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A British Assessment of U.S. Grand Strategy

What does one renowned British historian have to say about the U.S.’ imperial foreign policy?

December 25, 2005

What does one renowned British historian have to say about the U.S.' imperial foreign policy?

Harvard University history professor Niall Ferguson is no stranger to the limelight. Time Magazine ranked the oft-published and outspoken author of "Colossus: The Rise and Fall of the American Empire" one of the world's hundred most influential people. In this Read My Lips feature, we listen in to what this British-born author has to say about his adopted home the United States – in the contexts of China, the European Union, and imperialism.

What is peculiar about U.S. foreign policy?

“The great thing about the American empire is that so many Americans are so keen to disbelieve its very existence.”
(April 2003)

How is this sentiment visible in U.S. military interventions?

“U.S. interventions have tended to be quite short-term: the Americans are in a hurry to hold elections and go home.”
(January 2003)

Were the British imperialists in such a rush?

“The British didn’t mind living for years in Iraq or India for 100-plus years. Americans aren’t attracted to the idea of taking up residence in hot, poor places.”
(March 2003)

What seems to fascinate a British historian about an aggressive United States?

“If wars cost $20 to $70 billion a throw, the United States could probably fight one a year with no macroeconomic impact if they are won in 21 days.”
(June 2003)

What’s the downside?

“A quick withdrawal would doom Iraq to civil war or theocracy — probably both, in that order.”
(April 2004)

In what area have U.S. strategists failed the most?

“People in Iraq and elsewhere will only feel any affinity with the United States once they see their personal incomes rise.”
(April 2003)

Why does Iraq matter so much?

“There’s a very big difference between declining in the next five years and the next 500 years. I shouldn’t think Americans would like to live through what the British did.”
(January 2005)

What set of policy-prescriptions did the British Empire contribute to modern global politics?

“The policy “mix” favored by Victorian imperialists reads like something just published by the IMF, if not the World Bank: Free trade, balanced budgets, sound money, the common law, incorrupt administration — and investment in infrastructure financed by international loans.”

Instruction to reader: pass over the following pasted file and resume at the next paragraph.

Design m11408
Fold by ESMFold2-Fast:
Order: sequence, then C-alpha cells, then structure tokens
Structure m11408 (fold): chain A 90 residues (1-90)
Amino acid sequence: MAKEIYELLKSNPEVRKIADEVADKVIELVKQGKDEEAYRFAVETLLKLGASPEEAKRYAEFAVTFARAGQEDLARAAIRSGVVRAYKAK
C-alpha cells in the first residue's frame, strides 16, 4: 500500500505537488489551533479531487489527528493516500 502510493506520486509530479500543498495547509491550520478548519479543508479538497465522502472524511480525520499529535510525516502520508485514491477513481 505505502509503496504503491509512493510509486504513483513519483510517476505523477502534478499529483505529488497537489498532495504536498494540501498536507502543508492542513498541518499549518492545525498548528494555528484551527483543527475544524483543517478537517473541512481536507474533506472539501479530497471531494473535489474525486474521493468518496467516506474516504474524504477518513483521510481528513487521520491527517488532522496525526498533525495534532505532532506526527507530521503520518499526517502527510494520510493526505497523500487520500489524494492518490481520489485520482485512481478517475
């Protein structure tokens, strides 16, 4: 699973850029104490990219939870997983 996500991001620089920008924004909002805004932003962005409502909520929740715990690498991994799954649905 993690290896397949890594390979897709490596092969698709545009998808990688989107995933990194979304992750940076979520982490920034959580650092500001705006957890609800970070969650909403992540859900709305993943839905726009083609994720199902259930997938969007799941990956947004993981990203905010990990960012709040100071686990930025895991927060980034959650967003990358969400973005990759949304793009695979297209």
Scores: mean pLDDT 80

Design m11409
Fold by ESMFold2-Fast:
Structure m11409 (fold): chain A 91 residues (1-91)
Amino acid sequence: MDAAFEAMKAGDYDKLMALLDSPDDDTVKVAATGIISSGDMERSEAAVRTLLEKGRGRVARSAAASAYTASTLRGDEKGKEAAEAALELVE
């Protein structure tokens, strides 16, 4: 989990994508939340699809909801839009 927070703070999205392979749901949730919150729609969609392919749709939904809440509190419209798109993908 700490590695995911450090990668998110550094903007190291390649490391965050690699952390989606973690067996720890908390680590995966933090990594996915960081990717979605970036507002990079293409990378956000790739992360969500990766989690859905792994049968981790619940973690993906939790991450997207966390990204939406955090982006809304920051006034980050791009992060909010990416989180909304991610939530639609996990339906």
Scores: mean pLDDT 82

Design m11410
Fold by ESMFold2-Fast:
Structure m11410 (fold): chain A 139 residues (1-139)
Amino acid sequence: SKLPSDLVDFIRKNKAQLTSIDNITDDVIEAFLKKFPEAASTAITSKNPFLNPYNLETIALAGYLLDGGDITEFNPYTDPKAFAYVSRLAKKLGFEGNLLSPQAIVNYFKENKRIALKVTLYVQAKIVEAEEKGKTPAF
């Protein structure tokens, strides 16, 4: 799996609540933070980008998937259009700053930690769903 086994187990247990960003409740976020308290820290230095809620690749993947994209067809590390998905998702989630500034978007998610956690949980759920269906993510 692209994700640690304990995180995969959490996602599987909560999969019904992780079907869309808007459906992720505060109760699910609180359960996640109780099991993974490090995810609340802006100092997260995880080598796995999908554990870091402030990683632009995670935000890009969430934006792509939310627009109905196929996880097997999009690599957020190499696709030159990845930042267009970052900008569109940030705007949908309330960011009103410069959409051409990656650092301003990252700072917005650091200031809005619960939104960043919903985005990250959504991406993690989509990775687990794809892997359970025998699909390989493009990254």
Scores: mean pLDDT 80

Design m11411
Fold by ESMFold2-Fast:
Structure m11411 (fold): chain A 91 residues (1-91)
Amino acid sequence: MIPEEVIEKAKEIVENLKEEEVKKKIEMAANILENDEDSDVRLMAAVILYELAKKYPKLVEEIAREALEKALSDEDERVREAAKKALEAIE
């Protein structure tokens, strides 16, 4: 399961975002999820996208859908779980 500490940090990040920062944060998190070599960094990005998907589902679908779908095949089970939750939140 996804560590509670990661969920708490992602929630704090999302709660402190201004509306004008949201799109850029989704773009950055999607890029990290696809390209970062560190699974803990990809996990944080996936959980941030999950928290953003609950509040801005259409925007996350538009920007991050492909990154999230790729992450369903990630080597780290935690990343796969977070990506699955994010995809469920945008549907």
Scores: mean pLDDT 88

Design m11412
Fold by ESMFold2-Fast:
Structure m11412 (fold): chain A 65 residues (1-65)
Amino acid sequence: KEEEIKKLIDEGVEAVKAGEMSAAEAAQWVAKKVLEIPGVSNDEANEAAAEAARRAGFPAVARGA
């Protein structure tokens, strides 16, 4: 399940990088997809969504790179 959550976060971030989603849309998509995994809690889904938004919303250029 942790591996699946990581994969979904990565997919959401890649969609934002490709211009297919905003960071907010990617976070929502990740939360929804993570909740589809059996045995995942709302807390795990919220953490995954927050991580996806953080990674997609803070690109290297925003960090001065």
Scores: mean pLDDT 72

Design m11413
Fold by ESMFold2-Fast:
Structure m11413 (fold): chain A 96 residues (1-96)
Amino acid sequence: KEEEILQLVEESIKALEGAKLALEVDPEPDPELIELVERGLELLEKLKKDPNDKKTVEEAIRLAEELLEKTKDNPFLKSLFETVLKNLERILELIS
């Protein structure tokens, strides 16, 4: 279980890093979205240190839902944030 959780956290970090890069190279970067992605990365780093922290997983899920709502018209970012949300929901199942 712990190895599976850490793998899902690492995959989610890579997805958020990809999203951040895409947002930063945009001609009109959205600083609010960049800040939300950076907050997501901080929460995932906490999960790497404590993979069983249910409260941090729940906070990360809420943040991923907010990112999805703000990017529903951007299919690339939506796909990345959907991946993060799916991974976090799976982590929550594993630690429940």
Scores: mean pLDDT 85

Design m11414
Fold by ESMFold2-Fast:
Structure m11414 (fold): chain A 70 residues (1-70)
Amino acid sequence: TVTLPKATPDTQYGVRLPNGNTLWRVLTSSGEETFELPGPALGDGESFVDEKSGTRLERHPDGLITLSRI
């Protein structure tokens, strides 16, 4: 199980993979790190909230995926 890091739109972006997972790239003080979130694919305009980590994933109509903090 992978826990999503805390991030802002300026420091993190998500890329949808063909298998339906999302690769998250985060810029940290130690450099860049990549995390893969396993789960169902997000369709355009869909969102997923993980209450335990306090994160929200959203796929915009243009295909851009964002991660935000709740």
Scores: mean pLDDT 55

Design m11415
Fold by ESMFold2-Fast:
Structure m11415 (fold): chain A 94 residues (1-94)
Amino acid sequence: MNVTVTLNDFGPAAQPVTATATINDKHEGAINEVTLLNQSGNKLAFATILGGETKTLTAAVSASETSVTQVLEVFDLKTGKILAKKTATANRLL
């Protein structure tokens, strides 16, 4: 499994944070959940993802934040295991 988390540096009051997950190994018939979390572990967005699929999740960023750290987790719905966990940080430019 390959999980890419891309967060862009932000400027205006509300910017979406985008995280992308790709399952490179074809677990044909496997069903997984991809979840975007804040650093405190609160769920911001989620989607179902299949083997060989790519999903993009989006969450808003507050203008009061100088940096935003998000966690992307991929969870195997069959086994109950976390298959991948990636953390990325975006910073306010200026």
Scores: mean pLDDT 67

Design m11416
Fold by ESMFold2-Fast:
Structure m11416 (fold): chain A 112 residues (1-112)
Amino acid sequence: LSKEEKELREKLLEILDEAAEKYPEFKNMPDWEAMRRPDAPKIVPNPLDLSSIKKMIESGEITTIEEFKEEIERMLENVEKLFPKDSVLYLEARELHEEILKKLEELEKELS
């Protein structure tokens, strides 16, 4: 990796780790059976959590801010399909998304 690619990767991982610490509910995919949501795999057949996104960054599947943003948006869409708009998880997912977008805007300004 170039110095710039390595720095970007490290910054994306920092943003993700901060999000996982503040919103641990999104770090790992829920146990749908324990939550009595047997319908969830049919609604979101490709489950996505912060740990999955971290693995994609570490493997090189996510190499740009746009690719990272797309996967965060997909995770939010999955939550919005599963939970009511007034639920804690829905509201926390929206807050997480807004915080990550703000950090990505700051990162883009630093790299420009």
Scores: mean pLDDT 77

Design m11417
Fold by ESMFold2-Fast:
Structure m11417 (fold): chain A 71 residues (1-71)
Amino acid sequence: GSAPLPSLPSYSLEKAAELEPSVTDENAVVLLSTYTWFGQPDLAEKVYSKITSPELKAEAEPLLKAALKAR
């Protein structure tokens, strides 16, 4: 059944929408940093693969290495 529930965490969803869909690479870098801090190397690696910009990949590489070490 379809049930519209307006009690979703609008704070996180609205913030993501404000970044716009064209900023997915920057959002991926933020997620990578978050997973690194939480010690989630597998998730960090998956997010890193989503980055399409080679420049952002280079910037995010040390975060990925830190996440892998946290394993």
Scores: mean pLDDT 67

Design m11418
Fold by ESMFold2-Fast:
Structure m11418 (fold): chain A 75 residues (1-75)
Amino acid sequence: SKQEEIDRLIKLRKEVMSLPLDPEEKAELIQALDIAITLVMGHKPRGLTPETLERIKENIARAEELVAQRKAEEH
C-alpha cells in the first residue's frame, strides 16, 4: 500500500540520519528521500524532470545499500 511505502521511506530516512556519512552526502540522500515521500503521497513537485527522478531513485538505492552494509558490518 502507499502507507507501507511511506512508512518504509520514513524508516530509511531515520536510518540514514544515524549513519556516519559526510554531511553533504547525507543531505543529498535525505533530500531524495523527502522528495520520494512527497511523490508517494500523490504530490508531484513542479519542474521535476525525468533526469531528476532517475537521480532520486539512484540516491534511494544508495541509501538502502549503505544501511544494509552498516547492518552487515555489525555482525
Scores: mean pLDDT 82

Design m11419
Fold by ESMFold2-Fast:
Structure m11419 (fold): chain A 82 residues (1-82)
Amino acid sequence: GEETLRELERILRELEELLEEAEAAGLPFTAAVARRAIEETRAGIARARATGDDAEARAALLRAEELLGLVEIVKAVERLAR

(April 2003)

Is the United States at fault for deteriorating ties with European Union?

“George W. Bush should not be blamed for the deterioration of transatlantic relations. His much exaggerated ‘unilateralism’ is not why the Atlantic seems a little wider every day. It is Europe, not America, that is drifting away.”
(January 2005)

What is religion’s role in this increasing cultural divide?

“We are witnessing the simultaneous decline of both Protestantism and its unique work ethic in Europe.”
(June 2003)

How might a religious fundamentalist interpret this trend?

“From an evangelical point of view, Americans are bound for heaven and Europeans for hell.”
(January 2005)

Looking east to other U.S. trade partners, how would you describe the Sino-American economic relationship?

“Though neither side wants to admit it, today’s Sino-American economic relationship has an imperial character. Empires, remember, traditionally collect ‘tributes’ from subject peoples. Today’s ‘tribute’ is effectively paid to the American empire by China and other East Asian economies — in the form of under priced exports and low-interest, high-risk loans.”
(March 2005)

Who benefits within the United States?

“The Bush Administration’s combination of tax cuts for the Republican ‘base’ and a Global War on Terror is being financed with a multibillion dollar overdraft facility at the People’s Bank of China.”
(April 2005)

How about the American public?

“Without East Asia, your mortgage might well be costing you more. The toys you buy for your kids certainly would.” (March 2005)